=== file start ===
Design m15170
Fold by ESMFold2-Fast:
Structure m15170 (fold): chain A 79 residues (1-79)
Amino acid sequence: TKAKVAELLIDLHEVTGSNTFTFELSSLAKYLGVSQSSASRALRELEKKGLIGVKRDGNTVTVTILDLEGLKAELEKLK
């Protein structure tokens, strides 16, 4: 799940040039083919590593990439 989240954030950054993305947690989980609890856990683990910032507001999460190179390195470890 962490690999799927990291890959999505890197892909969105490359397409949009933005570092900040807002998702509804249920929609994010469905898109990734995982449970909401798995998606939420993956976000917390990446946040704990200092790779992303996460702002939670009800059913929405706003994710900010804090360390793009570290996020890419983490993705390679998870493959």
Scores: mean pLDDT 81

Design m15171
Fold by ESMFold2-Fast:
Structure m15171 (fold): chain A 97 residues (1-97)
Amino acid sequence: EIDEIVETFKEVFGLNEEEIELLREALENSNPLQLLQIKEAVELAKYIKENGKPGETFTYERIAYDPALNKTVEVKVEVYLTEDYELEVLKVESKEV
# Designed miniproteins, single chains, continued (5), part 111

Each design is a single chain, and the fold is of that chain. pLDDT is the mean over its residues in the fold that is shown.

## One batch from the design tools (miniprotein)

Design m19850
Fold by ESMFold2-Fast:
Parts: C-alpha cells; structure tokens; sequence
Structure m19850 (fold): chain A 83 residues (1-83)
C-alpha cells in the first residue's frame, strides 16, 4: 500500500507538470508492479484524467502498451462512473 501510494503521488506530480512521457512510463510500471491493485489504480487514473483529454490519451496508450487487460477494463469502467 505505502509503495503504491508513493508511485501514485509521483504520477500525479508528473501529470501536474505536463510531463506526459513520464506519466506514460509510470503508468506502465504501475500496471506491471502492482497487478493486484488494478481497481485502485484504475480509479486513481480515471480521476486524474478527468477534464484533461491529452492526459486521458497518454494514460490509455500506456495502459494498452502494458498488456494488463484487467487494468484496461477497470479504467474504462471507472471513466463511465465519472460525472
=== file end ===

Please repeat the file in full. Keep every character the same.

Design m15170
Fold by ESMFold2-Fast:
Structure m15170 (fold): chain A 79 residues (1-79)
Amino acid sequence: TKAKVAELLIDLHEVTGSNTFTFELSSLAKYLGVSQSSASRALRELEKKGLIGVKRDGNTVTVTILDLEGLKAELEKLK
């Protein structure tokens, strides 16, 4: 799940040039083919590593990439 989240954030950054993305947690989980609890856990683990910032507001999460190179390195470890 962490690999799927990291890959999505890197892909969105490359397409949009933005570092900040807002998702509804249920929609994010469905898109990734995982449970909401798995998606939420993956976000917390990446946040704990200092790779992303996460702002939670009800059913929405706003994710900010804090360390793009570290996020890419983490993705390679998870493959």
Scores: mean pLDDT 81

Design m15171
Fold by ESMFold2-Fast:
Structure m15171 (fold): chain A 97 residues (1-97)
Amino acid sequence: EIDEIVETFKEVFGLNEEEIELLREALENSNPLQLLQIKEAVELAKYIKENGKPGETFTYERIAYDPALNKTVEVKVEVYLTEDYELEVLKVESKEV
# Designed miniproteins, single chains, continued (5), part 111

Each design is a single chain, and the fold is of that chain. pLDDT is the mean over its residues in the fold that is shown.

## One batch from the design tools (miniprotein)

Design m19850
Fold by ESMFold2-Fast:
Parts: C-alpha cells; structure tokens; sequence
Structure m19850 (fold): chain A 83 residues (1-83)
C-alpha cells in the first residue's frame, strides 16, 4: 500500500507538470508492479484524467502498451462512473 501510494503521488506530480512521457512510463510500471491493485489504480487514473483529454490519451496508450487487460477494463469502467 505505502509503495503504491508513493508511485501514485509521483504520477500525479508528473501529470501536474505536463510531463506526459513520464506519466506514460509510470503508468506502465504501475500496471506491471502492482497487478493486484488494478481497481485502485484504475480509479486513481480515471480521476486524474478527468477534464484533461491529452492526459486521458497518454494514460490509455500506456495502459494498452502494458498488456494488463484487467487494468484496461477497470479504467474504462471507472471513466463511465465519472460525472